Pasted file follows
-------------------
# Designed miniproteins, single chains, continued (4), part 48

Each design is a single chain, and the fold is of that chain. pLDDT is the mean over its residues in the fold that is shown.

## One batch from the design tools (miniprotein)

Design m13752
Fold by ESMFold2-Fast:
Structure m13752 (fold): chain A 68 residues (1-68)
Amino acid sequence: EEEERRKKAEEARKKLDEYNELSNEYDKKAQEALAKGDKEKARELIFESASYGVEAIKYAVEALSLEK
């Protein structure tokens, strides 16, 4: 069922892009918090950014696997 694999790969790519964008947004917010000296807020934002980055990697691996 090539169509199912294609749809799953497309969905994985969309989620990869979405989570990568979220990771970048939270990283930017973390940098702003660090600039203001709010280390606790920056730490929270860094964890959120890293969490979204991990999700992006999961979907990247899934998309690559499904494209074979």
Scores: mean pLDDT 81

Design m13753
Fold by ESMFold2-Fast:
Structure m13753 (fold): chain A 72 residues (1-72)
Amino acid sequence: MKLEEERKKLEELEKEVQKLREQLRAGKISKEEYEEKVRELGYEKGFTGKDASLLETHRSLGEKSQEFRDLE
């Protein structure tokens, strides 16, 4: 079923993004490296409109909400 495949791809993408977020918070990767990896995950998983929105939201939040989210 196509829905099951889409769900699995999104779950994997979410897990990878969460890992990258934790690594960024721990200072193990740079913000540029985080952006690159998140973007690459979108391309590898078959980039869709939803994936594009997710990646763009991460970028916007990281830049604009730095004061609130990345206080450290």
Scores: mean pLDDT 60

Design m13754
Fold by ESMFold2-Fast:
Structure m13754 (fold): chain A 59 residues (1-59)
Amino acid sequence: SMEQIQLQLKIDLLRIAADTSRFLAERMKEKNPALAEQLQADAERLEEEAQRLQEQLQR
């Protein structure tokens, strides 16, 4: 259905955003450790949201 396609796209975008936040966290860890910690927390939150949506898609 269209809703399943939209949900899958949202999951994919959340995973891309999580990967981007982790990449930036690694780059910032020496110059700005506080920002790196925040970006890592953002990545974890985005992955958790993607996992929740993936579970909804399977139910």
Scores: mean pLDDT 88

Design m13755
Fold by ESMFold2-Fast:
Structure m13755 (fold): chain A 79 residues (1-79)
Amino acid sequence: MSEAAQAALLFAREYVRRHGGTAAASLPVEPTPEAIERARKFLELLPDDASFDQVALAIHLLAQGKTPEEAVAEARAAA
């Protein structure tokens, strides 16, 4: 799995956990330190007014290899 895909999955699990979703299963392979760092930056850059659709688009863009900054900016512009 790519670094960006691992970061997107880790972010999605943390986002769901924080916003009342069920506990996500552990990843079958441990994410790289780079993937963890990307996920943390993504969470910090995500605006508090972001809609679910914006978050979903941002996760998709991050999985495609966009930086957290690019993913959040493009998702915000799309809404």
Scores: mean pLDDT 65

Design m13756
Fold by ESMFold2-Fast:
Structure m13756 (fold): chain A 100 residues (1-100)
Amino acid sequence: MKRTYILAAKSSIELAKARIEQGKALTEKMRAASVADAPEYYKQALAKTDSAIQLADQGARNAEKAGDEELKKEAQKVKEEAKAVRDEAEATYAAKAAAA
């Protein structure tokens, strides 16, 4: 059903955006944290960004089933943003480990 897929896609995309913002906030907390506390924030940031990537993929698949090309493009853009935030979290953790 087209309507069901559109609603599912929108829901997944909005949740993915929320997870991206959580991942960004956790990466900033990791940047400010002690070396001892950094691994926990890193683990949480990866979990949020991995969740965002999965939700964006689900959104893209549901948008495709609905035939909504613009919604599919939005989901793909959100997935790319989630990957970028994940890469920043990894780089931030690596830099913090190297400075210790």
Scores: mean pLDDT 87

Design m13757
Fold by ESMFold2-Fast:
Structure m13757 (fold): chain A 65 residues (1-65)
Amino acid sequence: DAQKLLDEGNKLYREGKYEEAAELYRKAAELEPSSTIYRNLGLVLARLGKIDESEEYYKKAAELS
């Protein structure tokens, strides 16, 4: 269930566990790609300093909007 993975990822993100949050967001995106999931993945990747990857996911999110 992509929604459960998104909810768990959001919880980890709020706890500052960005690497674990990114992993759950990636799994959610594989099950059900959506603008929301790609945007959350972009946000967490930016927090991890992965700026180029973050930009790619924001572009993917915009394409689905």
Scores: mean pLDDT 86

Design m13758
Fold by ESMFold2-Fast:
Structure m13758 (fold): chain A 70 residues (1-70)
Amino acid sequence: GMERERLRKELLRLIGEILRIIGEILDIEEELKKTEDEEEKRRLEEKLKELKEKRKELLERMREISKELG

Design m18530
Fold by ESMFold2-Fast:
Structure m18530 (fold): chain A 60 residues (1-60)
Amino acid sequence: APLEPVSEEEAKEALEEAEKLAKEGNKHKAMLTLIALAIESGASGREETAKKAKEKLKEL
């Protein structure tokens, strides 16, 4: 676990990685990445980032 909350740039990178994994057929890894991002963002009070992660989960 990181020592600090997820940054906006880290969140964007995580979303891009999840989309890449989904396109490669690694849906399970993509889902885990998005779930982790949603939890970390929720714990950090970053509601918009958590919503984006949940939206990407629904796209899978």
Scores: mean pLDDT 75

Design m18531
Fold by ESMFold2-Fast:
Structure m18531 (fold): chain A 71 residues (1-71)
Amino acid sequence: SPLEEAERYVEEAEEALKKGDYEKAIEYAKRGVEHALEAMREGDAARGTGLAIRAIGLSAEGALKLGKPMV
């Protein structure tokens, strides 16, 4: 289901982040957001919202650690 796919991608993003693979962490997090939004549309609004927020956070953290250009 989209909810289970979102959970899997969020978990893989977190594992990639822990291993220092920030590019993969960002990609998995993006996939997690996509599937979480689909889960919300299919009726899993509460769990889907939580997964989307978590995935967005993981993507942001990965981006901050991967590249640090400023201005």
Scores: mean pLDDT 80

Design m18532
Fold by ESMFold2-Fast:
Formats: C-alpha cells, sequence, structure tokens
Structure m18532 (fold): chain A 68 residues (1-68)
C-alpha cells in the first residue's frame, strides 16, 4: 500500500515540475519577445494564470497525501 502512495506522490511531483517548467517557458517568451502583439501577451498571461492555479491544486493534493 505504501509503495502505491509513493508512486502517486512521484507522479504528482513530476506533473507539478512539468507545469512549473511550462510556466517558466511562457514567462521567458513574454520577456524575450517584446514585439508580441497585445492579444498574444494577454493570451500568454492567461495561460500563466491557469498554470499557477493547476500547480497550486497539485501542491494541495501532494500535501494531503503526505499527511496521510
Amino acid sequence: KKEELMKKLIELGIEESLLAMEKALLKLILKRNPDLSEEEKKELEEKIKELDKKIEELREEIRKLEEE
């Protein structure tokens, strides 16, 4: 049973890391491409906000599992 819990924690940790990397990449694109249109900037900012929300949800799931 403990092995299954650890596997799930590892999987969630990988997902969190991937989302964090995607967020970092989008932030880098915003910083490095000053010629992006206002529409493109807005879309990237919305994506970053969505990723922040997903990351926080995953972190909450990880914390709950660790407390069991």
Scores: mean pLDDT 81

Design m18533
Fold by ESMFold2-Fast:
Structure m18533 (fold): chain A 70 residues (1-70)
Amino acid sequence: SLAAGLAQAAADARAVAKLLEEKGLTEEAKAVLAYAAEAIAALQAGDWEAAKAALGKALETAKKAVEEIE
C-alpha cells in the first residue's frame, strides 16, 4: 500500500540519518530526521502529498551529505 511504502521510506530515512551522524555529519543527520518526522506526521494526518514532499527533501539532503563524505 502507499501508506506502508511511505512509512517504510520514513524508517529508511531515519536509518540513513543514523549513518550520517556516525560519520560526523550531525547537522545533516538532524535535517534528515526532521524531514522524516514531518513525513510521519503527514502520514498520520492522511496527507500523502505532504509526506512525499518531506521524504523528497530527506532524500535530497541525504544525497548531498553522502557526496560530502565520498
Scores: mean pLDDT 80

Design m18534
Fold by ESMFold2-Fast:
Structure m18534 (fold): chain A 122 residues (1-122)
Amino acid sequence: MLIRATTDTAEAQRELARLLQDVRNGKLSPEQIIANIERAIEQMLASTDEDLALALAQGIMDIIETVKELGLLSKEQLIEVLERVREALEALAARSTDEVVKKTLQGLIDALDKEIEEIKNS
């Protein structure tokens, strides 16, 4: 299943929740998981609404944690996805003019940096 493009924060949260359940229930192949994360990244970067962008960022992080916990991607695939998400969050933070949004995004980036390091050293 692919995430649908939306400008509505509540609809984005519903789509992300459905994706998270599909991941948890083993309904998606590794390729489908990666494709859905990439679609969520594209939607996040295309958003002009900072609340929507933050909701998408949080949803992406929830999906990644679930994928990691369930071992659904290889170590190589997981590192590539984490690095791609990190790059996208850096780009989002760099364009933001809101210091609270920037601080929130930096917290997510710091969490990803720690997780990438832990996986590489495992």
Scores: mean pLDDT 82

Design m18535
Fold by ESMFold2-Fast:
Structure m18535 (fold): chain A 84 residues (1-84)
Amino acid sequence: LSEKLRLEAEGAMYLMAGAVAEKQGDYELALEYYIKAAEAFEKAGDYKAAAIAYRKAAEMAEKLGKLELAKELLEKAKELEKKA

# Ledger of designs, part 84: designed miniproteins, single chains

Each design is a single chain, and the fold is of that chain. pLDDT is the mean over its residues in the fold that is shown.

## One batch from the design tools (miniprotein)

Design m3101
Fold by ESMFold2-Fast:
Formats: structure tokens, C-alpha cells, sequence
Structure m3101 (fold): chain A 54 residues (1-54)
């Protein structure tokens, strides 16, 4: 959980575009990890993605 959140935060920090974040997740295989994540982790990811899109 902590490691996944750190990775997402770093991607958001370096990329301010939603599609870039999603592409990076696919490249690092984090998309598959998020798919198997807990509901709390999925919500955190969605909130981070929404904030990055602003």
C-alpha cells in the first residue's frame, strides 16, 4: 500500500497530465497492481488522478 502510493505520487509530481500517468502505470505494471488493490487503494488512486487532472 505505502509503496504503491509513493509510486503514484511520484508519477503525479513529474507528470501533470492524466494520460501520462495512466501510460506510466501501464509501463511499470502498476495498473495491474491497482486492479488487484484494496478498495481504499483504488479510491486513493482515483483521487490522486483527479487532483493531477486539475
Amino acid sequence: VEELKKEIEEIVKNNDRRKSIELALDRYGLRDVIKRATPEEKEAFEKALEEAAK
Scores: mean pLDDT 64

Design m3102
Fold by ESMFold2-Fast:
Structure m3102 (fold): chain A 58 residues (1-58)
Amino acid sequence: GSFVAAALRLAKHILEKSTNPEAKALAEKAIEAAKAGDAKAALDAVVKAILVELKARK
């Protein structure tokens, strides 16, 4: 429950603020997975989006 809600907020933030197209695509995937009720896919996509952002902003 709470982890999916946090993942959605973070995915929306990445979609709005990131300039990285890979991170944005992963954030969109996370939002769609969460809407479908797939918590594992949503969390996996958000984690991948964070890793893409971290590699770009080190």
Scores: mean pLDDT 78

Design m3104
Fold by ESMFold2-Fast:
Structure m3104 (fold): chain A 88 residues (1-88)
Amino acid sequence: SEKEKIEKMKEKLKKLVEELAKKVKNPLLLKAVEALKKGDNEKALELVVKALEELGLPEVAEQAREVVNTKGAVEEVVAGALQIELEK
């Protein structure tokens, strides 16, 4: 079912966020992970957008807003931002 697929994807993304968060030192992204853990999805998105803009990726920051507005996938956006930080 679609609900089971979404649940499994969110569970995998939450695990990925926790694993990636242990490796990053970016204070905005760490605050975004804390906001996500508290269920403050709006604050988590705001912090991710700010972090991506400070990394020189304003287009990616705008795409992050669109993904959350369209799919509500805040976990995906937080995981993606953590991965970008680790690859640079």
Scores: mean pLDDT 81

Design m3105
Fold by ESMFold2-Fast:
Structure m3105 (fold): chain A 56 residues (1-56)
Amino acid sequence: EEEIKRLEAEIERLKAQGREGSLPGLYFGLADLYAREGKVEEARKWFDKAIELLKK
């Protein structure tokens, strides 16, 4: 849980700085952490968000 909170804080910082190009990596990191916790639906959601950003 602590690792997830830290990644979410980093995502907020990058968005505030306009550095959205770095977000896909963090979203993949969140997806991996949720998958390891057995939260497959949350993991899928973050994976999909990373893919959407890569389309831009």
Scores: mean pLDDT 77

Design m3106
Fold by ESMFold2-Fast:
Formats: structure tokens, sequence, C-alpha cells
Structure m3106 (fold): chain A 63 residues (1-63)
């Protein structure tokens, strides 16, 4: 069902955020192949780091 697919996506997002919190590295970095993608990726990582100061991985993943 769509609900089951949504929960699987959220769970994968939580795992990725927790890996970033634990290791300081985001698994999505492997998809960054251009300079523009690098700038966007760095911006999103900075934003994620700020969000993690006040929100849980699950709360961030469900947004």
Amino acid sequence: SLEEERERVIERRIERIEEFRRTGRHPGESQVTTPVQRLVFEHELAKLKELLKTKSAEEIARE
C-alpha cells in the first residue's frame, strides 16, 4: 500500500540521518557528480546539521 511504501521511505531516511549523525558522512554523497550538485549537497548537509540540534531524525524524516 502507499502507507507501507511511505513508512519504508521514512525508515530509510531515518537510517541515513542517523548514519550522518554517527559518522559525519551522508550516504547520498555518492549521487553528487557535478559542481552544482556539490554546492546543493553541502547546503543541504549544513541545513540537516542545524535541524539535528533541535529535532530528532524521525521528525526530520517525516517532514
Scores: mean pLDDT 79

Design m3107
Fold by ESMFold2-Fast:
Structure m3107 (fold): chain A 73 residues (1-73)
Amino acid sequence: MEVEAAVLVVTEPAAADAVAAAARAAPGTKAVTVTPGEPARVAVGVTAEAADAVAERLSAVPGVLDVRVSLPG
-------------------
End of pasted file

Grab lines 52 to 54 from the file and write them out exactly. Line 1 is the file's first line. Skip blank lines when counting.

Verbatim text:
Structure m18531 (fold): chain A 71 residues (1-71)
Amino acid sequence: SPLEEAERYVEEAEEALKKGDYEKAIEYAKRGVEHALEAMREGDAARGTGLAIRAIGLSAEGALKLGKPMV
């Protein structure tokens, strides 16, 4: 289901982040957001919202650690 796919991608993003693979962490997090939004549309609004927020956070953290250009 989209909810289970979102959970899997969020978990893989977190594992990639822990291993220092920030590019993969960002990609998995993006996939997690996509599937979480689909889960919300299919009726899993509460769990889907939580997964989307978590995935967005993981993507942001990965981006901050991967590249640090400023201005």